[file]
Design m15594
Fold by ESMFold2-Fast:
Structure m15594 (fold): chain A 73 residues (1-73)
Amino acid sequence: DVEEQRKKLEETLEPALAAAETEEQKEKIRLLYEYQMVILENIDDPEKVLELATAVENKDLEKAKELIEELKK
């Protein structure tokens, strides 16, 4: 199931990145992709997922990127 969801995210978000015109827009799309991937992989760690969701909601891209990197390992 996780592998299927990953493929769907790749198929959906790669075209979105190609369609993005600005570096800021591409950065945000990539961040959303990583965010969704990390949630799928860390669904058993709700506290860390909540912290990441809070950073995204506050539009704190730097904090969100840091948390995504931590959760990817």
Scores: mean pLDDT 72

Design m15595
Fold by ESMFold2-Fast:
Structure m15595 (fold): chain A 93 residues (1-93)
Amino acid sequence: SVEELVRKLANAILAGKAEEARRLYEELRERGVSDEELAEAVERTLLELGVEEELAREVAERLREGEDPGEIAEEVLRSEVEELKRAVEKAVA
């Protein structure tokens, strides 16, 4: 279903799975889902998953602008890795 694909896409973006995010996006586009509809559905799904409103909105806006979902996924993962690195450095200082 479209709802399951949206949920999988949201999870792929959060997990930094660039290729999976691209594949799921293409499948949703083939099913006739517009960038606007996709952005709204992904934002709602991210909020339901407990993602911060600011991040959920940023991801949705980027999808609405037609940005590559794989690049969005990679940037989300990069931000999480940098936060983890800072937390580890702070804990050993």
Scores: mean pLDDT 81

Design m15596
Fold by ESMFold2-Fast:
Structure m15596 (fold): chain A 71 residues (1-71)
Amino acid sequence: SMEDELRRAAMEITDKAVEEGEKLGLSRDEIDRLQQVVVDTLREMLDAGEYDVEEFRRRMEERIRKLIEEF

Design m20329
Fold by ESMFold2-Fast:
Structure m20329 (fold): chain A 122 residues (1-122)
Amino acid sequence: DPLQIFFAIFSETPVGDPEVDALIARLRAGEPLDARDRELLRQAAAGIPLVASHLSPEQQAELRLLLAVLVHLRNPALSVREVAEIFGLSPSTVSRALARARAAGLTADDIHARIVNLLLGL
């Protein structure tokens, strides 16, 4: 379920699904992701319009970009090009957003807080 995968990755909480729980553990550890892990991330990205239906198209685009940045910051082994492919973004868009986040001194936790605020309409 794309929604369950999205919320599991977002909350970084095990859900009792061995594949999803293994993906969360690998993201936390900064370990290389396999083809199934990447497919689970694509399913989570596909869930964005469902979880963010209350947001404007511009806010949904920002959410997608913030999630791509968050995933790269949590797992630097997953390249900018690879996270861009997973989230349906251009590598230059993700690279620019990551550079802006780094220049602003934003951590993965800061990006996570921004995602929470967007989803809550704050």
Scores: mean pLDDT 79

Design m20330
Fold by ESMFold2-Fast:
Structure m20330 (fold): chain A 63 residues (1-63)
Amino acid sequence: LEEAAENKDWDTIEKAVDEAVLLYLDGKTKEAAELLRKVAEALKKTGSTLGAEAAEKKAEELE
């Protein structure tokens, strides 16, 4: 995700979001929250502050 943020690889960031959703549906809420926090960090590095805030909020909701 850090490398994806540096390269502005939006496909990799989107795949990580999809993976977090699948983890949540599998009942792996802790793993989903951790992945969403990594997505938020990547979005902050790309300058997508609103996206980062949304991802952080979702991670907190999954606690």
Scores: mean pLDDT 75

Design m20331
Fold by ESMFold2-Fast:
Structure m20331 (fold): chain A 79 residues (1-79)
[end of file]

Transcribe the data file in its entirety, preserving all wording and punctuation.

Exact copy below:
Design m15594
Fold by ESMFold2-Fast:
Structure m15594 (fold): chain A 73 residues (1-73)
Amino acid sequence: DVEEQRKKLEETLEPALAAAETEEQKEKIRLLYEYQMVILENIDDPEKVLELATAVENKDLEKAKELIEELKK
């Protein structure tokens, strides 16, 4: 199931990145992709997922990127 969801995210978000015109827009799309991937992989760690969701909601891209990197390992 996780592998299927990953493929769907790749198929959906790669075209979105190609369609993005600005570096800021591409950065945000990539961040959303990583965010969704990390949630799928860390669904058993709700506290860390909540912290990441809070950073995204506050539009704190730097904090969100840091948390995504931590959760990817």
Scores: mean pLDDT 72

Design m15595
Fold by ESMFold2-Fast:
Structure m15595 (fold): chain A 93 residues (1-93)
Amino acid sequence: SVEELVRKLANAILAGKAEEARRLYEELRERGVSDEELAEAVERTLLELGVEEELAREVAERLREGEDPGEIAEEVLRSEVEELKRAVEKAVA
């Protein structure tokens, strides 16, 4: 279903799975889902998953602008890795 694909896409973006995010996006586009509809559905799904409103909105806006979902996924993962690195450095200082 479209709802399951949206949920999988949201999870792929959060997990930094660039290729999976691209594949799921293409499948949703083939099913006739517009960038606007996709952005709204992904934002709602991210909020339901407990993602911060600011991040959920940023991801949705980027999808609405037609940005590559794989690049969005990679940037989300990069931000999480940098936060983890800072937390580890702070804990050993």
Scores: mean pLDDT 81

Design m15596
Fold by ESMFold2-Fast:
Structure m15596 (fold): chain A 71 residues (1-71)
Amino acid sequence: SMEDELRRAAMEITDKAVEEGEKLGLSRDEIDRLQQVVVDTLREMLDAGEYDVEEFRRRMEERIRKLIEEF

Design m20329
Fold by ESMFold2-Fast:
Structure m20329 (fold): chain A 122 residues (1-122)
Amino acid sequence: DPLQIFFAIFSETPVGDPEVDALIARLRAGEPLDARDRELLRQAAAGIPLVASHLSPEQQAELRLLLAVLVHLRNPALSVREVAEIFGLSPSTVSRALARARAAGLTADDIHARIVNLLLGL
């Protein structure tokens, strides 16, 4: 379920699904992701319009970009090009957003807080 995968990755909480729980553990550890892990991330990205239906198209685009940045910051082994492919973004868009986040001194936790605020309409 794309929604369950999205919320599991977002909350970084095990859900009792061995594949999803293994993906969360690998993201936390900064370990290389396999083809199934990447497919689970694509399913989570596909869930964005469902979880963010209350947001404007511009806010949904920002959410997608913030999630791509968050995933790269949590797992630097997953390249900018690879996270861009997973989230349906251009590598230059993700690279620019990551550079802006780094220049602003934003951590993965800061990006996570921004995602929470967007989803809550704050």
Scores: mean pLDDT 79

Design m20330
Fold by ESMFold2-Fast:
Structure m20330 (fold): chain A 63 residues (1-63)
Amino acid sequence: LEEAAENKDWDTIEKAVDEAVLLYLDGKTKEAAELLRKVAEALKKTGSTLGAEAAEKKAEELE
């Protein structure tokens, strides 16, 4: 995700979001929250502050 943020690889960031959703549906809420926090960090590095805030909020909701 850090490398994806540096390269502005939006496909990799989107795949990580999809993976977090699948983890949540599998009942792996802790793993989903951790992945969403990594997505938020990547979005902050790309300058997508609103996206980062949304991802952080979702991670907190999954606690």
Scores: mean pLDDT 75

Design m20331
Fold by ESMFold2-Fast:
Structure m20331 (fold): chain A 79 residues (1-79)